Success with Oil Pigment process

Discussion in 'Alternative Processes' started by edbuffaloe, Dec 16, 2002.

  1. edbuffaloe

    edbuffaloe Member

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    This weekend I succeeded in making an oil pigment print, following Ernie Theisen's instructions at http://alt-photo.com/alt-photo/bromoil/ART...ints%20ern.html (A Method for Making Oil Pigment Prints). I had previously tried making bromoil prints, with very limited success. Despite making a test strip at 1X, 2X, and 3X normal exposures, and choosing the best one, I could not get any depth of black in the final print. But with the pigment process, wherein one does not bleach a print, but makes a matrix by coating fixed-out photographic paper with dichromate and exposing through a negative, it was relatively easy.

    Oil pigment printing requires a large negative, whereas one of the benefits of the bromoil process is that you can use an enlarger to make the print from which you obtain the matrix. I made my first oil pigment print from an original 8x10 negative, and it appears that a normal contrast negative (suitable for silver printing) works just fine. I'm anxious to test some of my enlarged negatives made for salt and VDB (though I fear they will be too contrasty).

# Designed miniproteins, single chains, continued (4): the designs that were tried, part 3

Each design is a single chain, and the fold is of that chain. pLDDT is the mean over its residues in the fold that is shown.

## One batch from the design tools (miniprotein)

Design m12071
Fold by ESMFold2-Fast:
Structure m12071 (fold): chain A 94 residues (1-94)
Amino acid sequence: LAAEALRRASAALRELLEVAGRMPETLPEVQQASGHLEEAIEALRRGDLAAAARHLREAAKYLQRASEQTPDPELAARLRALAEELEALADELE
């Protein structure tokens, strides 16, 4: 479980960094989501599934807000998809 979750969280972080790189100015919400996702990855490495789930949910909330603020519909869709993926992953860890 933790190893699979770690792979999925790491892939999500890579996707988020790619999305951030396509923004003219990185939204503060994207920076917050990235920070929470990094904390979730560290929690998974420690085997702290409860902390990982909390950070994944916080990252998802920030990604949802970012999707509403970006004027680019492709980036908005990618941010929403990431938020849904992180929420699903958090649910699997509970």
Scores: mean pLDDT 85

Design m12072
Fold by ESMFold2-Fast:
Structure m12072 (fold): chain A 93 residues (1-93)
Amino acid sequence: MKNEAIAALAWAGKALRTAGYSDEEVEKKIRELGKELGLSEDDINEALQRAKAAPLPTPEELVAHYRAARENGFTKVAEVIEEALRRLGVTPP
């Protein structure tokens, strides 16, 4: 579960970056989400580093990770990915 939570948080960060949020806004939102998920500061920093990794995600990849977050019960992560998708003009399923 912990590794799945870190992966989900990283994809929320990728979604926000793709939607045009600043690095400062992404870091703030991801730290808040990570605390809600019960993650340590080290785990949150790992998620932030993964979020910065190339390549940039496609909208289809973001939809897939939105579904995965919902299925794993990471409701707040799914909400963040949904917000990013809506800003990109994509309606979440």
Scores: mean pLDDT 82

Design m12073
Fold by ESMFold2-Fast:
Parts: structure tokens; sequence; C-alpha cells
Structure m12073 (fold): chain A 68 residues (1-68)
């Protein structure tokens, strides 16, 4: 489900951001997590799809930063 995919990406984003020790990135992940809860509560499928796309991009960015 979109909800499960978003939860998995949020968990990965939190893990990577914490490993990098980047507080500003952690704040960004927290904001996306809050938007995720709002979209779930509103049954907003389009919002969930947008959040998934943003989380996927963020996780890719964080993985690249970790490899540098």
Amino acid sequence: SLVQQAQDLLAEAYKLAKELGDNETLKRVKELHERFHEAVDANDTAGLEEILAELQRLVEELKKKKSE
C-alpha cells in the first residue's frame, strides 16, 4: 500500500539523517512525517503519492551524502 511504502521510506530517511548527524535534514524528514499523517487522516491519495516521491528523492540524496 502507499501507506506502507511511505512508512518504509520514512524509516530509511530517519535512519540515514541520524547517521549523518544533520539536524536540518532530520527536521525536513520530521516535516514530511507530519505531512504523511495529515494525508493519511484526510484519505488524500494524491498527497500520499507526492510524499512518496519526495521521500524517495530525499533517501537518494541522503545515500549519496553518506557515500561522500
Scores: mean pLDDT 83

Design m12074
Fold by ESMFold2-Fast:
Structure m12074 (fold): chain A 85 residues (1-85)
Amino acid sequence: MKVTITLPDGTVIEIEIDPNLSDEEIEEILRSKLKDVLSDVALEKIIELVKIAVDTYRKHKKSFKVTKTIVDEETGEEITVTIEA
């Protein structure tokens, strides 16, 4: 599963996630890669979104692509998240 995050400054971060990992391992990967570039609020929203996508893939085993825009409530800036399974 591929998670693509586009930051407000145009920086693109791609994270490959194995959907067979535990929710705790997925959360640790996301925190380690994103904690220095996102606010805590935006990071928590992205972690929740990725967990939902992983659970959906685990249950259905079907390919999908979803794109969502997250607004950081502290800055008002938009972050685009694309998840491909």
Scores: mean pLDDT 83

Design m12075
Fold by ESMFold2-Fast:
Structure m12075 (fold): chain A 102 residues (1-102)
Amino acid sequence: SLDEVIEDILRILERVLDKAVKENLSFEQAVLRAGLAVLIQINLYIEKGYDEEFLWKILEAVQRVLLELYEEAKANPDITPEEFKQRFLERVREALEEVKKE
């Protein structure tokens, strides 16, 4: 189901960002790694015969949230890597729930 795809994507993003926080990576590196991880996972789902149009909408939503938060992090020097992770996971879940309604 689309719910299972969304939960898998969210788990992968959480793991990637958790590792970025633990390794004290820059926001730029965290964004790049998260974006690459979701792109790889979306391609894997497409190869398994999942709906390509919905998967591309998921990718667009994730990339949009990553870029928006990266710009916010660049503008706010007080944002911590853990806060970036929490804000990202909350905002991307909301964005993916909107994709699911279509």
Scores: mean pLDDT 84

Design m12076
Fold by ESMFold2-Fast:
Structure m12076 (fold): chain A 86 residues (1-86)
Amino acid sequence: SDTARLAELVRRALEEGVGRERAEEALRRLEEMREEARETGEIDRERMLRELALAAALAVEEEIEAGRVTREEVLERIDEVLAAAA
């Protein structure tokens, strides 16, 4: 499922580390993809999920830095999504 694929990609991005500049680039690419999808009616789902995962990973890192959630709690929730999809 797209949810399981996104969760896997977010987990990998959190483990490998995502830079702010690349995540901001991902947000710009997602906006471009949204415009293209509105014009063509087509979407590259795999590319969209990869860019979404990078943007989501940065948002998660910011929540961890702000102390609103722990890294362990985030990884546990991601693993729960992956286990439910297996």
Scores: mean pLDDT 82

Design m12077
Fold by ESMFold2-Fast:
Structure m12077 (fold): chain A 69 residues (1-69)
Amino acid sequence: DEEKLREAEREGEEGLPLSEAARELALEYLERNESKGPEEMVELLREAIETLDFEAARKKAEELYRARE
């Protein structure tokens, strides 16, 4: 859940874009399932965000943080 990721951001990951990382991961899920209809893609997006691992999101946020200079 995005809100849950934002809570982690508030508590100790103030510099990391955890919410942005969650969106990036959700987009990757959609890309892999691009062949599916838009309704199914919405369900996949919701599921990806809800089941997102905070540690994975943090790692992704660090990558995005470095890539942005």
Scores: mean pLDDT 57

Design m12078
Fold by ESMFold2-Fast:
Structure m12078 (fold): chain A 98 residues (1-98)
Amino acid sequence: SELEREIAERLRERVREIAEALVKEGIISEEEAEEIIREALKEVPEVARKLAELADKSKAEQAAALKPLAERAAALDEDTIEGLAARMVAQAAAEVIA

One thing I noticed is that my inks had hardened considerably since I last tried bromoil, which made it easy to get the right consistency. Perhaps they will work better for bromoil now.
     
  2. William Levitt

    William Levitt Member

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    Well, despite the possible road-blocks involved in the Bromoil process, I've just finished reading David Lewis's book on the subject, and am looking forward to by first experience with an "alternative" process.